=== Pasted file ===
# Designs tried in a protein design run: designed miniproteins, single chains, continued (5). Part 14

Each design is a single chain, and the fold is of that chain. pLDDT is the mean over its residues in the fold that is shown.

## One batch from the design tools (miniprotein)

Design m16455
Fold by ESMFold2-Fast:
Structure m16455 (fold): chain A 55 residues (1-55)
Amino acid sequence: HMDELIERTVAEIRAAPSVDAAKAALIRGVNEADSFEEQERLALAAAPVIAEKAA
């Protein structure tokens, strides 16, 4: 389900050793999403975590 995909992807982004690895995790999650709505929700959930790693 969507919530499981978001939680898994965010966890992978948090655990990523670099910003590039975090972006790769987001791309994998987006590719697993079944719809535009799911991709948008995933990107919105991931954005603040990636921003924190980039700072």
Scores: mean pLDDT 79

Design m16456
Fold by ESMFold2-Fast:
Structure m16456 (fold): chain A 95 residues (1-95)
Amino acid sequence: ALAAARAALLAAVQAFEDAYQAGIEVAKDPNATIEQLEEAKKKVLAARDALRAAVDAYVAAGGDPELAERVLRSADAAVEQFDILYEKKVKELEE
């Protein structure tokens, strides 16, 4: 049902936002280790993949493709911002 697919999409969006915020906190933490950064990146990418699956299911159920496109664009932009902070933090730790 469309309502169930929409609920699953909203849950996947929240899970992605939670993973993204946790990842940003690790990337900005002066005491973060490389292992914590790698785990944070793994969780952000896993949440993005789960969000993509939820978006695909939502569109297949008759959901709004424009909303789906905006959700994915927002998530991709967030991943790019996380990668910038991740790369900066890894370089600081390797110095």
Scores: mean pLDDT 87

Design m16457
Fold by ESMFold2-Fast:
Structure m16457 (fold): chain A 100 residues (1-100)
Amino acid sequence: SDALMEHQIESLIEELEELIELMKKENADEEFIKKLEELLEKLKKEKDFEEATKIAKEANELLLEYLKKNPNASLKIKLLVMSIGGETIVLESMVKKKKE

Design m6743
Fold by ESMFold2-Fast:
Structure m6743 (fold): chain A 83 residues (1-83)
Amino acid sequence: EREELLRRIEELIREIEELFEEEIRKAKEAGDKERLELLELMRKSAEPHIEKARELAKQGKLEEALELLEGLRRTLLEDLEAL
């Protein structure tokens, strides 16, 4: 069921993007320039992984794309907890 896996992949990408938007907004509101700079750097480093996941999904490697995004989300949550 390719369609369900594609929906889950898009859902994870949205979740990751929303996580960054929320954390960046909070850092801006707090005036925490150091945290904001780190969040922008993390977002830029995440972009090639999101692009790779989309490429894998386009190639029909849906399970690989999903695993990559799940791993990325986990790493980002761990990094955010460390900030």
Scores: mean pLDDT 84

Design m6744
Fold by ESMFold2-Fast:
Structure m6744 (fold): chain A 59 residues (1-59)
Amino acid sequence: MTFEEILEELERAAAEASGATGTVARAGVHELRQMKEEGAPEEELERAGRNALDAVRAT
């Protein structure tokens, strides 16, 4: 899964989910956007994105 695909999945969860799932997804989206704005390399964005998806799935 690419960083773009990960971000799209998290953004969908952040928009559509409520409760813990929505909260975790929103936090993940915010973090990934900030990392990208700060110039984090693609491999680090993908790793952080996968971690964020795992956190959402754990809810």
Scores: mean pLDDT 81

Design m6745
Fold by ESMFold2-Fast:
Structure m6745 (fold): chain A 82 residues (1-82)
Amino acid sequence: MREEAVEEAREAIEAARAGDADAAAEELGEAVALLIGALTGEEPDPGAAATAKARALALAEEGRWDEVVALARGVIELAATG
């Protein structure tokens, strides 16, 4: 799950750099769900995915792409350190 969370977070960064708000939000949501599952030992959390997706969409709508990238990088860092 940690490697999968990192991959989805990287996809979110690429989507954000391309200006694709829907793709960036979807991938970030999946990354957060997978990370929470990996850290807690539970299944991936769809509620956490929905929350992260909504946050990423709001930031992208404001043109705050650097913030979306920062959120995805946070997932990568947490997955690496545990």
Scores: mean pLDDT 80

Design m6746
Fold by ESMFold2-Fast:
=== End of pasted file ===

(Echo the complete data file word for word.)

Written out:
# Designs tried in a protein design run: designed miniproteins, single chains, continued (5). Part 14

Each design is a single chain, and the fold is of that chain. pLDDT is the mean over its residues in the fold that is shown.

## One batch from the design tools (miniprotein)

Design m16455
Fold by ESMFold2-Fast:
Structure m16455 (fold): chain A 55 residues (1-55)
Amino acid sequence: HMDELIERTVAEIRAAPSVDAAKAALIRGVNEADSFEEQERLALAAAPVIAEKAA
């Protein structure tokens, strides 16, 4: 389900050793999403975590 995909992807982004690895995790999650709505929700959930790693 969507919530499981978001939680898994965010966890992978948090655990990523670099910003590039975090972006790769987001791309994998987006590719697993079944719809535009799911991709948008995933990107919105991931954005603040990636921003924190980039700072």
Scores: mean pLDDT 79

Design m16456
Fold by ESMFold2-Fast:
Structure m16456 (fold): chain A 95 residues (1-95)
Amino acid sequence: ALAAARAALLAAVQAFEDAYQAGIEVAKDPNATIEQLEEAKKKVLAARDALRAAVDAYVAAGGDPELAERVLRSADAAVEQFDILYEKKVKELEE
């Protein structure tokens, strides 16, 4: 049902936002280790993949493709911002 697919999409969006915020906190933490950064990146990418699956299911159920496109664009932009902070933090730790 469309309502169930929409609920699953909203849950996947929240899970992605939670993973993204946790990842940003690790990337900005002066005491973060490389292992914590790698785990944070793994969780952000896993949440993005789960969000993509939820978006695909939502569109297949008759959901709004424009909303789906905006959700994915927002998530991709967030991943790019996380990668910038991740790369900066890894370089600081390797110095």
Scores: mean pLDDT 87

Design m16457
Fold by ESMFold2-Fast:
Structure m16457 (fold): chain A 100 residues (1-100)
Amino acid sequence: SDALMEHQIESLIEELEELIELMKKENADEEFIKKLEELLEKLKKEKDFEEATKIAKEANELLLEYLKKNPNASLKIKLLVMSIGGETIVLESMVKKKKE

Design m6743
Fold by ESMFold2-Fast:
Structure m6743 (fold): chain A 83 residues (1-83)
Amino acid sequence: EREELLRRIEELIREIEELFEEEIRKAKEAGDKERLELLELMRKSAEPHIEKARELAKQGKLEEALELLEGLRRTLLEDLEAL
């Protein structure tokens, strides 16, 4: 069921993007320039992984794309907890 896996992949990408938007907004509101700079750097480093996941999904490697995004989300949550 390719369609369900594609929906889950898009859902994870949205979740990751929303996580960054929320954390960046909070850092801006707090005036925490150091945290904001780190969040922008993390977002830029995440972009090639999101692009790779989309490429894998386009190639029909849906399970690989999903695993990559799940791993990325986990790493980002761990990094955010460390900030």
Scores: mean pLDDT 84

Design m6744
Fold by ESMFold2-Fast:
Structure m6744 (fold): chain A 59 residues (1-59)
Amino acid sequence: MTFEEILEELERAAAEASGATGTVARAGVHELRQMKEEGAPEEELERAGRNALDAVRAT
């Protein structure tokens, strides 16, 4: 899964989910956007994105 695909999945969860799932997804989206704005390399964005998806799935 690419960083773009990960971000799209998290953004969908952040928009559509409520409760813990929505909260975790929103936090993940915010973090990934900030990392990208700060110039984090693609491999680090993908790793952080996968971690964020795992956190959402754990809810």
Scores: mean pLDDT 81

Design m6745
Fold by ESMFold2-Fast:
Structure m6745 (fold): chain A 82 residues (1-82)
Amino acid sequence: MREEAVEEAREAIEAARAGDADAAAEELGEAVALLIGALTGEEPDPGAAATAKARALALAEEGRWDEVVALARGVIELAATG
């Protein structure tokens, strides 16, 4: 799950750099769900995915792409350190 969370977070960064708000939000949501599952030992959390997706969409709508990238990088860092 940690490697999968990192991959989805990287996809979110690429989507954000391309200006694709829907793709960036979807991938970030999946990354957060997978990370929470990996850290807690539970299944991936769809509620956490929905929350992260909504946050990423709001930031992208404001043109705050650097913030979306920062959120995805946070997932990568947490997955690496545990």
Scores: mean pLDDT 80

Design m6746
Fold by ESMFold2-Fast: